How much poop can you pack in a word?

How far can a millipede move on a summer day?

And is it true what they say about daddy long legs?

The river fidgets and swells, knocking boats of oak leaves astray.

Pebbled waters quell the darkened sky- pebbled

currents, squelched rippled riverside.

Some Chipmunk Thoughts

Homes. They are our exteriors, our shells. We once lived naked, no cloth covering our skin, and now we have houses to cover us as well. It is far too easy to become trapped within the privacy of our houses; we forget, or ignore, the life that exists beyond them.

            Thinking of this from the cozies of my bed, I realize the hypocrisy and I go outside. It’s early morning, my favorite time of day, but also the time I get to see the least. Maybe that is why I like it so much—because it’s rare. Mornings are never handed to me. I have to force myself to wake up early; I have to earn them.

As I open my door I can’t help but whistle. It’s shaping up to be a fine day: the sky sits still, a pale blue and cloudless. No storms threaten from the horizon. The air smells crisp, like fresh onion. What am I doing out here? I am here proving a point, disproving my previous hypocrisy by spending time beyond the walls of my living room, outside where people walk and talk and greet one another.

Across the street I spot my neighbor walking towards his sparkling car, most likely on the way to work. This is the perfect chance for me to interact with the outside world. I make my way eagerly towards him, excited to start a conversation about anything! When I am halfway to the street, however, he sees me coming, does an about-face and walks back in the direction of his front door. I continue to approach, awkwardly say good morning, and send him a friendly wave. He responds with a strange head-bob and a grunt, says “forgot my keys” to his shirt collar, and disappears back into his house. I guess I seemed too eager.

            Since I have already left my own lawn, I decide to keep moving. This day is meant for walking. The first thing that catches my eye is the well-clipped yard across the street—my frightened neighbor’s yard. It seemed lusher today than I had ever noticed. The walkway leading to his yellow door is the only thing that isn’t breathing, popping out from the depths of his lawn. Purple flowers carpet both sides of the walk, calm and plump. They seem tired, the way they fall on one another.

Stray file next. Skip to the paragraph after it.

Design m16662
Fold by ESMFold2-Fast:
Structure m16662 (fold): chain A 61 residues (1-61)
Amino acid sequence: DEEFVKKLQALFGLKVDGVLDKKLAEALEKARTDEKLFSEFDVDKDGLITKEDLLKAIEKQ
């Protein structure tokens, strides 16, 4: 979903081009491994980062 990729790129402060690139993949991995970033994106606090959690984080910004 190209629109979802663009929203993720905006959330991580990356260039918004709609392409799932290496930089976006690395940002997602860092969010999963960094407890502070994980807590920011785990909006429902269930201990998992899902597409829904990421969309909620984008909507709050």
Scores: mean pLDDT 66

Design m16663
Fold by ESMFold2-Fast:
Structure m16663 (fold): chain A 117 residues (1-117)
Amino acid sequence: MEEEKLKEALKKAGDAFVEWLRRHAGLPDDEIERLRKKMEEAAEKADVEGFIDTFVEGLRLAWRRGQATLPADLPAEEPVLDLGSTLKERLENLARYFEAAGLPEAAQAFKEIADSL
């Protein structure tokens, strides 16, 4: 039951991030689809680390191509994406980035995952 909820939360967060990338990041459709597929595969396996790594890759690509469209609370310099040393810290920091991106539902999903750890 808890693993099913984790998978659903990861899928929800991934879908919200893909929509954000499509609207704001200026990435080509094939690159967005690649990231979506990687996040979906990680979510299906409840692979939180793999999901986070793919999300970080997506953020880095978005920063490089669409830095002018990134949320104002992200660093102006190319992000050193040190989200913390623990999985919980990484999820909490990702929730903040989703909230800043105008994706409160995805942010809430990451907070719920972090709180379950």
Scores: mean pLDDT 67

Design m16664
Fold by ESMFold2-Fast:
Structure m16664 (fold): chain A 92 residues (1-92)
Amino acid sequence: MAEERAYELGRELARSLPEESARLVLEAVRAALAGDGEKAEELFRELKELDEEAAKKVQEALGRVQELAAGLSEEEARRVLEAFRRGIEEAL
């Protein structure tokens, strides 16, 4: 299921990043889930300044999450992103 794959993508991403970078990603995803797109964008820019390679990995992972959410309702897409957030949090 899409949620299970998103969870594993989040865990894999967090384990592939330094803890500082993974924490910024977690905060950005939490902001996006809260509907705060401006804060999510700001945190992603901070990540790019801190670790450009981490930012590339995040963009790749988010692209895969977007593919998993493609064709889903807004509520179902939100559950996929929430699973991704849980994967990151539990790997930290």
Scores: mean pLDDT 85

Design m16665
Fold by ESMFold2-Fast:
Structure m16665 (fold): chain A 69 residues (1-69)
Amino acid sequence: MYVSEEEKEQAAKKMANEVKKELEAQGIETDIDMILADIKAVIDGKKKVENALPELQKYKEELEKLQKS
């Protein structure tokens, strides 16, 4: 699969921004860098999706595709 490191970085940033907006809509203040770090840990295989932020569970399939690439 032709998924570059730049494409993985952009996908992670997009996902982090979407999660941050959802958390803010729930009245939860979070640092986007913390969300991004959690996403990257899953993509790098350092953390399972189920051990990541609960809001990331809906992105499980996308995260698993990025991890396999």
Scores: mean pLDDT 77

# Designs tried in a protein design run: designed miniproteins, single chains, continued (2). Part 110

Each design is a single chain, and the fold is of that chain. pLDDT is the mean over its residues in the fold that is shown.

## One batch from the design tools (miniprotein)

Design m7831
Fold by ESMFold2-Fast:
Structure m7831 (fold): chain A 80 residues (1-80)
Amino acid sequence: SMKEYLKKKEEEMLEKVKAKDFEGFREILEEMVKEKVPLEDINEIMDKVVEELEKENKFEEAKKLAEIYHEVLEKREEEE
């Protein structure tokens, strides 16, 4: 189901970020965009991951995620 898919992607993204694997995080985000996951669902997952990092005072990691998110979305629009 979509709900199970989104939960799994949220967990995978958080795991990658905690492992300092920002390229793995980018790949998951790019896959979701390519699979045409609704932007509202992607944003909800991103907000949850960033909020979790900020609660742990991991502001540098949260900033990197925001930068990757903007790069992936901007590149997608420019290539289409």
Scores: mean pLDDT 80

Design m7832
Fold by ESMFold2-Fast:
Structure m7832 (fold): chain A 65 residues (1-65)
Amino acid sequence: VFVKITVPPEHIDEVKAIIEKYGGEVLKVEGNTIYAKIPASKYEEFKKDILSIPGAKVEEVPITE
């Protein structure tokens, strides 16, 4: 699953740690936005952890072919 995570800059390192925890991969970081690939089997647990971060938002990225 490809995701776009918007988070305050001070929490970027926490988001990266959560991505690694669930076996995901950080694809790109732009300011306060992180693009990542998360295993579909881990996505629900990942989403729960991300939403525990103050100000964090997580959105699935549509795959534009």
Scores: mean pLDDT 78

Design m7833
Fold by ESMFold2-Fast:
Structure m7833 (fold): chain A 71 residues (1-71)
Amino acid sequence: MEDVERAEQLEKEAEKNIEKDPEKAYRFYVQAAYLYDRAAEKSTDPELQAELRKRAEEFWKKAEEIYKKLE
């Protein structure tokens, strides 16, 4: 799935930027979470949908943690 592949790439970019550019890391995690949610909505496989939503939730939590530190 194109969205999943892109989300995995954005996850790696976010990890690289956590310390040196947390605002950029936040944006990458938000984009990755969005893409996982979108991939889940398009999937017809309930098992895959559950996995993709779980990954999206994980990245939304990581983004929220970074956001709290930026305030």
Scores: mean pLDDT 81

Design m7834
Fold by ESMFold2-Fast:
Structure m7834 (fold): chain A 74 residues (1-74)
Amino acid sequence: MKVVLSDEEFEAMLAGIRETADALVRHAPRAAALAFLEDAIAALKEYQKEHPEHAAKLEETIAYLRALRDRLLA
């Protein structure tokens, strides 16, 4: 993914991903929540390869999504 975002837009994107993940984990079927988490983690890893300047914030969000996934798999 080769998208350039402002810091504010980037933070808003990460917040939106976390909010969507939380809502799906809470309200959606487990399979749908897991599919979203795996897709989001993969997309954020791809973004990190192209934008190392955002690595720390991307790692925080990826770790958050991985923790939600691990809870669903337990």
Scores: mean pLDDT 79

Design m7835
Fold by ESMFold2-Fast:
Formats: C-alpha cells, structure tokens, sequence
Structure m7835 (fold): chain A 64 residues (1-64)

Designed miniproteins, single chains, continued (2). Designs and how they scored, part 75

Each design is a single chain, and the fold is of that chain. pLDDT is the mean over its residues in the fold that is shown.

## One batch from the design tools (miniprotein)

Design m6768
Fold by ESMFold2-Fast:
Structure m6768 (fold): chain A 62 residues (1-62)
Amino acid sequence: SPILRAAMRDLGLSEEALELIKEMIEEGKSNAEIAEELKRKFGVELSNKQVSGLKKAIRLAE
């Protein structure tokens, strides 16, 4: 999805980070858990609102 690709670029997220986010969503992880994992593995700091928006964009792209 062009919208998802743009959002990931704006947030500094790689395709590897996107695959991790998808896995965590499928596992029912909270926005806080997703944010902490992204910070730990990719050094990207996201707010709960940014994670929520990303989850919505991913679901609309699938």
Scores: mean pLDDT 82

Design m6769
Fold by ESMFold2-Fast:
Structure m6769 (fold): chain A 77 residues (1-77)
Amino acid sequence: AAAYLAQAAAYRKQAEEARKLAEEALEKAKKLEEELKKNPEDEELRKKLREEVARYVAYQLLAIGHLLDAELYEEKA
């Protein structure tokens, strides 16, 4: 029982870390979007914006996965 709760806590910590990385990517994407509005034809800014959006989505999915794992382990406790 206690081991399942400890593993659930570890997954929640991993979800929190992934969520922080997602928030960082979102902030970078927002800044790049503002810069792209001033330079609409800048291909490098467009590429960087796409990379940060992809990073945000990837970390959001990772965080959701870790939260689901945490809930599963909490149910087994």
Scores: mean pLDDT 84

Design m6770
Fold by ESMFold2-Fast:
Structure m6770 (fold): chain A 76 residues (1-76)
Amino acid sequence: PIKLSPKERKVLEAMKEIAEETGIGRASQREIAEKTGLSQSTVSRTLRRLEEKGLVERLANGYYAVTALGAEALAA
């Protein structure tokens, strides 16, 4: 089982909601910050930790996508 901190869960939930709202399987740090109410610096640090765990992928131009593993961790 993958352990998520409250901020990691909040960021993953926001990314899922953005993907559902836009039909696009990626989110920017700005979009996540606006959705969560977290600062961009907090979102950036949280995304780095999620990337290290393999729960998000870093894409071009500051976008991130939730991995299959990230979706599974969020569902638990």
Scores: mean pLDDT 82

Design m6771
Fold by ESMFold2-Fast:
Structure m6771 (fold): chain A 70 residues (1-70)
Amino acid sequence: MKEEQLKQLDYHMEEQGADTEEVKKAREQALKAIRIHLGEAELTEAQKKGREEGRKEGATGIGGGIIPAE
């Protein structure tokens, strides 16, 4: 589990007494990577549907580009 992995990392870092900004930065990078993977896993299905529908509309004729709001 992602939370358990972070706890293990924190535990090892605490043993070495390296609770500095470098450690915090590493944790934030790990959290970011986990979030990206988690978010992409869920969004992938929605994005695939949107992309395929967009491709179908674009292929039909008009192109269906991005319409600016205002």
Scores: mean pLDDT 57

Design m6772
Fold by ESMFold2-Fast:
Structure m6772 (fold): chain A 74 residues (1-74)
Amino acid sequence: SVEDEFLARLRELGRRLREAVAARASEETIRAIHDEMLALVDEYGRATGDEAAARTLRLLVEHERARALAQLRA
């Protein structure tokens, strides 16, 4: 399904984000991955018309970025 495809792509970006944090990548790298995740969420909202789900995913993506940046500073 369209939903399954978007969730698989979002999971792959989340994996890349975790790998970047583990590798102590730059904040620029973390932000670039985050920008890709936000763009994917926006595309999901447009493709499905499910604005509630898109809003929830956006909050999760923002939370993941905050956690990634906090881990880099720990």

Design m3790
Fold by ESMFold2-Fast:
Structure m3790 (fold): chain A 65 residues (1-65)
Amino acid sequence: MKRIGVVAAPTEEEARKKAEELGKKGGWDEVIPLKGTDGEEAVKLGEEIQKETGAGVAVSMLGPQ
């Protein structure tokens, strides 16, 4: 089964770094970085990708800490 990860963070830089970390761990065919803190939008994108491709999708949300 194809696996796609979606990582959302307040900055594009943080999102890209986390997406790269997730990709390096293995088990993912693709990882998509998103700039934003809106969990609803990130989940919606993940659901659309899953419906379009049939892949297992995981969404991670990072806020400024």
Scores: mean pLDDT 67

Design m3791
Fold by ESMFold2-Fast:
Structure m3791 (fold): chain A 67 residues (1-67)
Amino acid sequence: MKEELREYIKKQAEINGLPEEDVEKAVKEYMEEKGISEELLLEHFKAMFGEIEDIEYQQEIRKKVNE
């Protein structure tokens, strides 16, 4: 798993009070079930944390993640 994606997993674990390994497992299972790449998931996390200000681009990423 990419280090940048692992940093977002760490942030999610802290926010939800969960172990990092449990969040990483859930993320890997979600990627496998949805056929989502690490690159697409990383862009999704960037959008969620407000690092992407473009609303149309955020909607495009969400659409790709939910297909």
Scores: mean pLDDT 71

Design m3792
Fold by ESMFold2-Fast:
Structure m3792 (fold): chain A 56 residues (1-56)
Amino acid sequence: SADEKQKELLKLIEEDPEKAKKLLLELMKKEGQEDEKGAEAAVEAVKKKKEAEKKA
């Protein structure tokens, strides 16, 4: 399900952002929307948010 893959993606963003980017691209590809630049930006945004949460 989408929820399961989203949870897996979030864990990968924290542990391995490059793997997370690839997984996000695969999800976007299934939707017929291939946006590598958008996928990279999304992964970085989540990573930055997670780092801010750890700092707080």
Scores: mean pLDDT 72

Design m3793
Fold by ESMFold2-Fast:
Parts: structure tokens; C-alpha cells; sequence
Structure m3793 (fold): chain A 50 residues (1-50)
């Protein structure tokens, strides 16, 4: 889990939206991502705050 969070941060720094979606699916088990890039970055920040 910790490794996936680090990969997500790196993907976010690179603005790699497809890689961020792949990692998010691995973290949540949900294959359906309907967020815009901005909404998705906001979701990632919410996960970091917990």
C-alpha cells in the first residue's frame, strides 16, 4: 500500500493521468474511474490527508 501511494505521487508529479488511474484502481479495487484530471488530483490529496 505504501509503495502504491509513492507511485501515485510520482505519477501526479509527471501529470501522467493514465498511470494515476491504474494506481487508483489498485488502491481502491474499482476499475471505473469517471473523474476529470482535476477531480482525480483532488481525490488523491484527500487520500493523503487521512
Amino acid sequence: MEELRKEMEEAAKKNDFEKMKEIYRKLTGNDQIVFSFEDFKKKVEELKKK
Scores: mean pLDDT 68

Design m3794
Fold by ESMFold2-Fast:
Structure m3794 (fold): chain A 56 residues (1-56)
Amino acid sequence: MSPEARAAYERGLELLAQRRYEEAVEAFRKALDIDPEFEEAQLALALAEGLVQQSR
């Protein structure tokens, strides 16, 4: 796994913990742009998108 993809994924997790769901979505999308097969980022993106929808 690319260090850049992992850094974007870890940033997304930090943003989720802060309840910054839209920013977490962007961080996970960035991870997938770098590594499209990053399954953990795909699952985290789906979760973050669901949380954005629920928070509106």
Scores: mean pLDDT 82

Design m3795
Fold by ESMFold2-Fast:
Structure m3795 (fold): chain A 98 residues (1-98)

A sticker bush sits not too far away, in severe contrast of the budding little flowers. The bushes branches tangle and twist upon one another, as if battling, as if growing straight were a sign of weakness. They fight and press against each other, poking with their prickly sharpness. They’re dark, and I continue to walk.


            Chipmunks are not as rare as you would think. I see them all the time; one darts now from trash can to shrubbery, hastily, not to be noticed. Had I not learned what they looked like from pictures and movies, I probably still wouldn’t know. These guys are little projectiles, throwing themselves in whatever direction they are headed, faster than my eyes can follow. I notice them all the time, but how much do I really see? A blur, a moment. How many live in my same neighborhood? How different are they from my neighbors?

Elephant Touch

I stretch out my hand, touch the trunk, the forehead,

the tusks. The familiarity surprises me.


Her wrinkles sit deep within her old skin.

I wonder, does she feel my touch?


They say elephants have deep

emotions; they mourn the loss of family


and will sometimes carry bones

of the dead for miles within their trunks,


holding the memory until a suitable

burial site comes along.


Then the living drop the bones of the dead,

covering them with mud and dust,


never forgetting where they were left.

Learning to Fall —revised

Sunlight ignites the shimmering

paint and dripping,

your face falls into flames.

Your eyelashes paint streaks;

vibrant splashes, shimmering hues

blaze with dancing fires.


I blink. I want to see what you see,

drown white-hot blues with your ruby tears,

bold brush strokes.


You choke. Smoke fills the sky; your

color fades to ashes.

Picture of a Workhorse

Among strings of low-growing tangleweeds

and jumbled piles of fallen trees, gathered by

hardened hands of Nicaraguan farmers, a

workhorse stands, waiting.


Outfitted in chains and ropes, he holds his head,